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  • HRA Pharma has applied to market an OTC birth control pill called Opill.
  • The progestin-only pill would be the first of its kind in the United States.
  • The pill is safer than combined estrogen-progestin pills, experts say.
  • Doctors believe women can safely screen themselves for any risk factors.
  • Planned Parenthood applauds the move, saying it will help increase access to birth control.

On July 11, 2022, Perrigo Company plc announced that its subsidiary HRA Pharma had submitted an application to the Food and Drug Administration (FDA) for an over-the-counter birth control pill.

If the FDA approves this medication, it would be the first daily birth control pill available in the United States without a prescription.

The drug is currently sold by prescription under the brand name Opill.

HRA Pharma anticipates that an FDA advisory committee meeting will be held in the first half of 2023. They further note that it generally takes about 10 months for this type of application to be approved.

HRA Pharma says Opill is an oral contraceptive first approved in 1973, so it has a long history of safe usage.

According to Dr. Jessica Lee, an OB-GYN at the University of Maryland Medical Center and Assistant Professor at the University of Maryland School of Medicine, the hormone it contains, norgestrel, is chemically similar to progesterone, one of the hormones that a woman naturally produces during her menstrual cycle.

The American College of Obstetricians and Gynecologists says that when this type of pill is taken daily, it thickens a woman’s cervical mucous, making it difficult for sperm to enter the uterus and fertilize an egg. Here’s what ACOG says: Progestin stops ovulation, but it does not do so consistently. About 4 in 10 women who use progestin-only pills will continue to ovulate.

Lee explained that it differs from birth control pills containing two hormones, estrogen and progestin.

“The typical pill currently requires a prescription in the U.S. because the estrogen component comes with some increased risks and may not be a safe option for people with certain medical conditions.”

According to Planned Parenthood, although severe side effects are rare, birth control pills containing combined estrogen and progestin can increase the risk for heart attack, blood clots, stroke, liver tumors, and death.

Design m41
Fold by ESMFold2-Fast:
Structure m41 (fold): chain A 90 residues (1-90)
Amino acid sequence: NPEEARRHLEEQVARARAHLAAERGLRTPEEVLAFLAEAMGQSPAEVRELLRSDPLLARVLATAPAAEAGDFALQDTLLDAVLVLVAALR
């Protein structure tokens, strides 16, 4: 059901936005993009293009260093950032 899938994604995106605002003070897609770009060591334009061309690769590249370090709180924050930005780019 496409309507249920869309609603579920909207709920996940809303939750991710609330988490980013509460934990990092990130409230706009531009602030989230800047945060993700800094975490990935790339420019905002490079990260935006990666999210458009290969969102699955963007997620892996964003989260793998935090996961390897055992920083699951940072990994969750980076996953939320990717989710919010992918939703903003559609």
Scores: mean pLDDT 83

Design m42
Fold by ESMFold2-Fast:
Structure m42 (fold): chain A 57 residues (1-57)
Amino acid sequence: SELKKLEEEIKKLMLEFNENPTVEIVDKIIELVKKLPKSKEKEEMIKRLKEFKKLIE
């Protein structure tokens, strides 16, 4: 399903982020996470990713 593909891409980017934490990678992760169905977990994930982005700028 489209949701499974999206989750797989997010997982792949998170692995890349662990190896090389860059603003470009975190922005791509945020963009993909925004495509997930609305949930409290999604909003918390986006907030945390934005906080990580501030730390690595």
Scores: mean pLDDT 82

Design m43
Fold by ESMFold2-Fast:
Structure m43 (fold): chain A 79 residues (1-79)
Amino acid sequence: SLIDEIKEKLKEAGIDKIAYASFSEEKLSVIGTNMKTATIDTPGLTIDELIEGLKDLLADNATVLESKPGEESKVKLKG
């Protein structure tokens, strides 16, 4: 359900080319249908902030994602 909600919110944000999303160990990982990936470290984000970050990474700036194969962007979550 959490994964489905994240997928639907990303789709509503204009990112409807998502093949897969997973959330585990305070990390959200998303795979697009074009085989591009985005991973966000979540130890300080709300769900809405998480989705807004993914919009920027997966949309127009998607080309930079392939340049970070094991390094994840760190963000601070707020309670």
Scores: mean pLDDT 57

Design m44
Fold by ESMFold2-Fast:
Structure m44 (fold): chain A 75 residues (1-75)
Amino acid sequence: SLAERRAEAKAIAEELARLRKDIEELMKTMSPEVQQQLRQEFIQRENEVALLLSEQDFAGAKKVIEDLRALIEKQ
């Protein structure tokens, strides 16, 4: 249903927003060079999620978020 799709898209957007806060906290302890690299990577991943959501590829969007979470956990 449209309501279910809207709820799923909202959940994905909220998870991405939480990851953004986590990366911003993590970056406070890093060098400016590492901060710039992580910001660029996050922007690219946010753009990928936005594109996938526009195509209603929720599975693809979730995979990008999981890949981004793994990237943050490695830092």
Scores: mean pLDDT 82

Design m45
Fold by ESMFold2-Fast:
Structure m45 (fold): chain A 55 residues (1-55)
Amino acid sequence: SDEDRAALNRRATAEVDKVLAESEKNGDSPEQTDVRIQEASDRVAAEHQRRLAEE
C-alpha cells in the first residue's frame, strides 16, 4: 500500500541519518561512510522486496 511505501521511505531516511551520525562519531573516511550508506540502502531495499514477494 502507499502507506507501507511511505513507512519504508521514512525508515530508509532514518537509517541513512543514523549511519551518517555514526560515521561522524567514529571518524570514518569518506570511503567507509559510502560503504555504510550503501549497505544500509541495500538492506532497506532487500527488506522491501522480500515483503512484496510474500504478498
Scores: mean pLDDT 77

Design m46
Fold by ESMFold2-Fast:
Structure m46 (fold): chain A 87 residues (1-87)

Lee said that because HRA Pharma’s medication is a progestin-only pill, which is overall very safe, it is a good candidate for being sold over the counter.

However, she added that this doesn’t rule out selling birth control pills with both hormones in the future.

“There are several medical groups that feel the typical birth control pill with estrogen and progestin is also a good candidate for being sold over the counter, so perhaps that will be the next step.”

Lee further noted that there are certain risks when you are using birth control pills.

“Some risks of the pill occur if you use it if you are already pregnant if you have breast cancer, if you have liver disease, or if you have abnormal vaginal bleeding,” she said.

“Women can generally safely screen themselves for these risks without seeing a doctor,” she added.

Lee did caution, however, that Opill must be taken consistently for it to be effective. “There is less wiggle room for error,” she said, “and it is recommended to take Opill at the same time every day.”

Dr. Krishna Upadhya, vice president of quality care and health equity at Planned Parenthood Federation of America, said HRA Pharma’s move to sell Opill over the counter is significant in light of recent activity by the U.S. Supreme Court.

“The overturning of Roe v. Wade has brought a renewed sense of urgency to all sexual and reproductive healthcare services, including birth control access in the U.S.,” said Upadhya, “And while birth control is no substitute for abortion access, access to contraception is critical to folks’ ability to manage their own healthcare and control their own bodies.”

Upadhya cited statistics indicating that almost 9 out of 10 women of reproductive age use contraception. In addition, she said nearly 9 out of 10 adults agree that everyone deserves access to a full range of birth control methods.

“Birth control is not a nice-to-have,” she said. “It’s necessary.”

Upadhya said that the requirement for a prescription creates several barriers, including cost, transportation, child care, and privacy and confidentiality concerns.

“These barriers make it difficult for folks who do not have easy access to a health care provider and/or who face stigma or discrimination in the healthcare system — including Black and Latino communities and other people of color, LGBTQ+ folks, and young people,” said Upadhya.

“Along with curbing costs and eliminating age restrictions, making birth control methods available over-the-counter will make it easier for people to manage their own sexual and reproductive health,” she said.

She further noted that decades of research worldwide had established oral contraceptives as safe and effective.

Upadhya concluded by saying that Planned Parenthood is committed to expanding access to birth control for all who need it. She said the organization applauds HRA Pharma’s request as “a significant step in the right direction.”